The ILO project, by Space Age Publishing
Company and its Lunar Enterprise Corporation subsidiary of
Hawaii and California, USA, to emplace a robotic observatory /
antenna dish for astrophysical and other observations / communications
near the Moon's South Pole by mid-2008 is advancing through a new
phase with preparations for the ILO Advisory Committee Workshop,
set for 17-20 November 2005 on
the west, Kohala coast of Hawai`i Island.
ILO AC Workshop, with some 60 invited astrophysics
and space technology experts, financial and philanthropic independents,
visionaries and entrepreneurs from Canada, China, India, Japan, Europe,
Russia, USA mainland, Hawaii and elsewhere, is tasked with ILO mission
determination for multi-wavelength observation; with user, sponsor
and funding identification; and with organizational, management
and executive realization.
for lunar base build-out and catalyst for cis-lunar commerce
and development, the robotic ILO is both a science and commerce
mission, both public and private, for astronomy and
communications, with anticipated human service mission follow-on.
Phase A "Lunar Dish Observatory" 2003 study by
SpaceDev of Poway, California, concluded such an enterprise was feasible
for notably low costs (US$35 million) within a standard 2-3 year commercial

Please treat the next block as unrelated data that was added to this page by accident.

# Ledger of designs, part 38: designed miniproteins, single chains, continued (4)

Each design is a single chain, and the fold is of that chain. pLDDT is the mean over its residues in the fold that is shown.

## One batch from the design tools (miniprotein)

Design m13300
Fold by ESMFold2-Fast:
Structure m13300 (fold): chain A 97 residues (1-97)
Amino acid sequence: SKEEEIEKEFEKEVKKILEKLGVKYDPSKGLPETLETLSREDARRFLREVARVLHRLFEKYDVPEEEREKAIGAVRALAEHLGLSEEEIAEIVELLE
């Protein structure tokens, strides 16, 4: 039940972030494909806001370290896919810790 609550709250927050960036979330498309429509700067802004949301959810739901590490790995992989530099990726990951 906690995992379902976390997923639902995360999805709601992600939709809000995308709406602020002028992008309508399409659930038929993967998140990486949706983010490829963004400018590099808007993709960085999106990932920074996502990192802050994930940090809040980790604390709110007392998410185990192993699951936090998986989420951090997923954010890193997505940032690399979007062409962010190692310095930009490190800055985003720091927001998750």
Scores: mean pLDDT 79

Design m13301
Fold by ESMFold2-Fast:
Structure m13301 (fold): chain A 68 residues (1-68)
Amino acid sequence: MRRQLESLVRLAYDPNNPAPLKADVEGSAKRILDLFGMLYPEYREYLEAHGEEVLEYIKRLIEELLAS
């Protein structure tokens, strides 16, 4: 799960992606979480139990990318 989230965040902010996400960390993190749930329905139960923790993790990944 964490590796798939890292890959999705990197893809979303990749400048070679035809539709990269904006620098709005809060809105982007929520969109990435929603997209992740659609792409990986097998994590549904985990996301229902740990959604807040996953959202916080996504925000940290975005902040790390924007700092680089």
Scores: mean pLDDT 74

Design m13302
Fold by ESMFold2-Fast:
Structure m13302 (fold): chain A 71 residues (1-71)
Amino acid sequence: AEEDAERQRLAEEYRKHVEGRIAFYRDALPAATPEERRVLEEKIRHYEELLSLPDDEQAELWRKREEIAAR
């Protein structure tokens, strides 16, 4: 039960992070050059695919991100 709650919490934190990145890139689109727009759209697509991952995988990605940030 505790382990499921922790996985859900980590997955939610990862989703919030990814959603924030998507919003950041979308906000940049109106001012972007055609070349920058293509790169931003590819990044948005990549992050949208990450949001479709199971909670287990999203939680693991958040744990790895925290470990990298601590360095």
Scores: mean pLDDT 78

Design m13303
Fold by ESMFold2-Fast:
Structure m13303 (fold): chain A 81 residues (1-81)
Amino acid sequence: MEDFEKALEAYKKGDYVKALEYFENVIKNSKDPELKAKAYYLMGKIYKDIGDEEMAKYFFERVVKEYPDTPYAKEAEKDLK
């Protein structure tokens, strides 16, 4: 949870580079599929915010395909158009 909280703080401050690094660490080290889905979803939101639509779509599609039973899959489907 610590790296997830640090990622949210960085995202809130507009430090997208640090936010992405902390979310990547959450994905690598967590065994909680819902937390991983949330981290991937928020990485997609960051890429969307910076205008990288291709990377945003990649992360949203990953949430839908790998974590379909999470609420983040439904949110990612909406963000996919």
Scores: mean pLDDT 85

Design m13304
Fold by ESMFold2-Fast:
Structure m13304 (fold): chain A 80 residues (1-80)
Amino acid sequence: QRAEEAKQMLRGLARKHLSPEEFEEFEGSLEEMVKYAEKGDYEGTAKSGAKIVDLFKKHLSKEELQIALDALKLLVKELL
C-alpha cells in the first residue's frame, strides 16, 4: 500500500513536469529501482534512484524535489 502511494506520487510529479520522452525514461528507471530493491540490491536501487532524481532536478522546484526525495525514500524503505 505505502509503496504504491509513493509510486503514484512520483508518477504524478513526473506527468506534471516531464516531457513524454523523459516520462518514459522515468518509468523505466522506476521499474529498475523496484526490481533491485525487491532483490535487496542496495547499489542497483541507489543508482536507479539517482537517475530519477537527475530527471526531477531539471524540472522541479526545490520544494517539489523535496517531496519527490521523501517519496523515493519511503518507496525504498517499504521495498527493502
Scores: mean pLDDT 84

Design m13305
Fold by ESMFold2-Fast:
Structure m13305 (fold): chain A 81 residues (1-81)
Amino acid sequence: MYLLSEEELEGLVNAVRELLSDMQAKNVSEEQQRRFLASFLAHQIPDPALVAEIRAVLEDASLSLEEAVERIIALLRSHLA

timeframe. SpaceDev's Phase B "International Lunar Observatory" 2004
report, also commissioned and financed by Space Age / LEC and with
technical consultation from Optech Inc of Canada, focused on landing
technologies required for the spacecraft's precision, safe touchdown
at the lunar south pole.
support of the ILO is being considered with the University of
Hawaii, Canada-France-Hawaii Telescope Corporation, Smithsonian
Astrophysical Observatory, National Radio Astronomical Observatory,
and Gemini Observatory (all in Hawaii), as well as with the China
National Astronomical Observatory, Indian Institute of Astrophysics,
National Astronomical Observatory of Japan, European Southern
Observatory, and others. The ILO also may engage significantly with Space Age
Publishing Company's other major initiatives: "Stanford on the Moon" at
Stanford University, California; Hawaii Space Tours "From Hawaii
to the Moon", and Kansas state motto initiative, "Ad Astra
-- To The Stars".